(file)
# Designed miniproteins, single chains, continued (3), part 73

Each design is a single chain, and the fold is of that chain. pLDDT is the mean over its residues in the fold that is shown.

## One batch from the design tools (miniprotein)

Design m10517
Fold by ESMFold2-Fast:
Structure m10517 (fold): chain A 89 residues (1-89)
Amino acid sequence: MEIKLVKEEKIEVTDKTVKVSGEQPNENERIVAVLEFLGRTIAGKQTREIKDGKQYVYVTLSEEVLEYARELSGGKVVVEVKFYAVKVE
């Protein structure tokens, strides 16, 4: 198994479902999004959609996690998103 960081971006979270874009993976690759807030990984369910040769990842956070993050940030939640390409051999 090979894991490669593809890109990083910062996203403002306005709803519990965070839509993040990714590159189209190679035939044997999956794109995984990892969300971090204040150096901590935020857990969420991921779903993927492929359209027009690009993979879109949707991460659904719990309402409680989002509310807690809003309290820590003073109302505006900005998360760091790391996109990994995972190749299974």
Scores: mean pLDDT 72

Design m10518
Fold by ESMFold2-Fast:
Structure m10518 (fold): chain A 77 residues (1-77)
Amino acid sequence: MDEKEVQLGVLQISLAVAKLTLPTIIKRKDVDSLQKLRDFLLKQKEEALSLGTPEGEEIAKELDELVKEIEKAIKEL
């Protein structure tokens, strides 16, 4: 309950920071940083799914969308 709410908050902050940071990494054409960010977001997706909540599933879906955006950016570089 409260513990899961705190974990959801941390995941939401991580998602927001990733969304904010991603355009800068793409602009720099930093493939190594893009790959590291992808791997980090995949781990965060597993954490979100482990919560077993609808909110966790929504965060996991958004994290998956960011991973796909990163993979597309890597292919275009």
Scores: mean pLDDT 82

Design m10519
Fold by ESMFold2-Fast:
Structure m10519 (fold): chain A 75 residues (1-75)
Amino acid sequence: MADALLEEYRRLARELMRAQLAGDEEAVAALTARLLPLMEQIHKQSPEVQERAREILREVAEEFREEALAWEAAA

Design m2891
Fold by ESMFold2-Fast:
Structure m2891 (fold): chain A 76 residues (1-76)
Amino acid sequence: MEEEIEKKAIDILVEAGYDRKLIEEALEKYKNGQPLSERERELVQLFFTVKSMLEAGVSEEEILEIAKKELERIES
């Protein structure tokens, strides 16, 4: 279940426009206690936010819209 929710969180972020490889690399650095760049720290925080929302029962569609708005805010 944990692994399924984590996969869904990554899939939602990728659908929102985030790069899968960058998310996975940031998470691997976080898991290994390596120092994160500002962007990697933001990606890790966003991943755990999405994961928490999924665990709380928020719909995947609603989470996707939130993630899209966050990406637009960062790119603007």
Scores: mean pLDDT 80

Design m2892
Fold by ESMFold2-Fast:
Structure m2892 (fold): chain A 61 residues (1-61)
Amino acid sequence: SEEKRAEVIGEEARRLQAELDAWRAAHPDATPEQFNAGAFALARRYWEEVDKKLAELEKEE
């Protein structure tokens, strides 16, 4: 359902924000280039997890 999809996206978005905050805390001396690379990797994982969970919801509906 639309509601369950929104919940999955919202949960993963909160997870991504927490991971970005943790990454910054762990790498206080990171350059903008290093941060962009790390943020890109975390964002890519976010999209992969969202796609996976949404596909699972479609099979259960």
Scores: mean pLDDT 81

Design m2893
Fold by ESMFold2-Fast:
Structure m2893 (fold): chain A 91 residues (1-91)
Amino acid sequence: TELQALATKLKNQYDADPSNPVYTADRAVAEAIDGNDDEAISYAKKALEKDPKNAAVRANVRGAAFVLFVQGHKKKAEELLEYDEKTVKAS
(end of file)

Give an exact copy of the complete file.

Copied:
# Designed miniproteins, single chains, continued (3), part 73

Each design is a single chain, and the fold is of that chain. pLDDT is the mean over its residues in the fold that is shown.

## One batch from the design tools (miniprotein)

Design m10517
Fold by ESMFold2-Fast:
Structure m10517 (fold): chain A 89 residues (1-89)
Amino acid sequence: MEIKLVKEEKIEVTDKTVKVSGEQPNENERIVAVLEFLGRTIAGKQTREIKDGKQYVYVTLSEEVLEYARELSGGKVVVEVKFYAVKVE
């Protein structure tokens, strides 16, 4: 198994479902999004959609996690998103 960081971006979270874009993976690759807030990984369910040769990842956070993050940030939640390409051999 090979894991490669593809890109990083910062996203403002306005709803519990965070839509993040990714590159189209190679035939044997999956794109995984990892969300971090204040150096901590935020857990969420991921779903993927492929359209027009690009993979879109949707991460659904719990309402409680989002509310807690809003309290820590003073109302505006900005998360760091790391996109990994995972190749299974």
Scores: mean pLDDT 72

Design m10518
Fold by ESMFold2-Fast:
Structure m10518 (fold): chain A 77 residues (1-77)
Amino acid sequence: MDEKEVQLGVLQISLAVAKLTLPTIIKRKDVDSLQKLRDFLLKQKEEALSLGTPEGEEIAKELDELVKEIEKAIKEL
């Protein structure tokens, strides 16, 4: 309950920071940083799914969308 709410908050902050940071990494054409960010977001997706909540599933879906955006950016570089 409260513990899961705190974990959801941390995941939401991580998602927001990733969304904010991603355009800068793409602009720099930093493939190594893009790959590291992808791997980090995949781990965060597993954490979100482990919560077993609808909110966790929504965060996991958004994290998956960011991973796909990163993979597309890597292919275009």
Scores: mean pLDDT 82

Design m10519
Fold by ESMFold2-Fast:
Structure m10519 (fold): chain A 75 residues (1-75)
Amino acid sequence: MADALLEEYRRLARELMRAQLAGDEEAVAALTARLLPLMEQIHKQSPEVQERAREILREVAEEFREEALAWEAAA

Design m2891
Fold by ESMFold2-Fast:
Structure m2891 (fold): chain A 76 residues (1-76)
Amino acid sequence: MEEEIEKKAIDILVEAGYDRKLIEEALEKYKNGQPLSERERELVQLFFTVKSMLEAGVSEEEILEIAKKELERIES
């Protein structure tokens, strides 16, 4: 279940426009206690936010819209 929710969180972020490889690399650095760049720290925080929302029962569609708005805010 944990692994399924984590996969869904990554899939939602990728659908929102985030790069899968960058998310996975940031998470691997976080898991290994390596120092994160500002962007990697933001990606890790966003991943755990999405994961928490999924665990709380928020719909995947609603989470996707939130993630899209966050990406637009960062790119603007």
Scores: mean pLDDT 80

Design m2892
Fold by ESMFold2-Fast:
Structure m2892 (fold): chain A 61 residues (1-61)
Amino acid sequence: SEEKRAEVIGEEARRLQAELDAWRAAHPDATPEQFNAGAFALARRYWEEVDKKLAELEKEE
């Protein structure tokens, strides 16, 4: 359902924000280039997890 999809996206978005905050805390001396690379990797994982969970919801509906 639309509601369950929104919940999955919202949960993963909160997870991504927490991971970005943790990454910054762990790498206080990171350059903008290093941060962009790390943020890109975390964002890519976010999209992969969202796609996976949404596909699972479609099979259960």
Scores: mean pLDDT 81

Design m2893
Fold by ESMFold2-Fast:
Structure m2893 (fold): chain A 91 residues (1-91)
Amino acid sequence: TELQALATKLKNQYDADPSNPVYTADRAVAEAIDGNDDEAISYAKKALEKDPKNAAVRANVRGAAFVLFVQGHKKKAEELLEYDEKTVKAS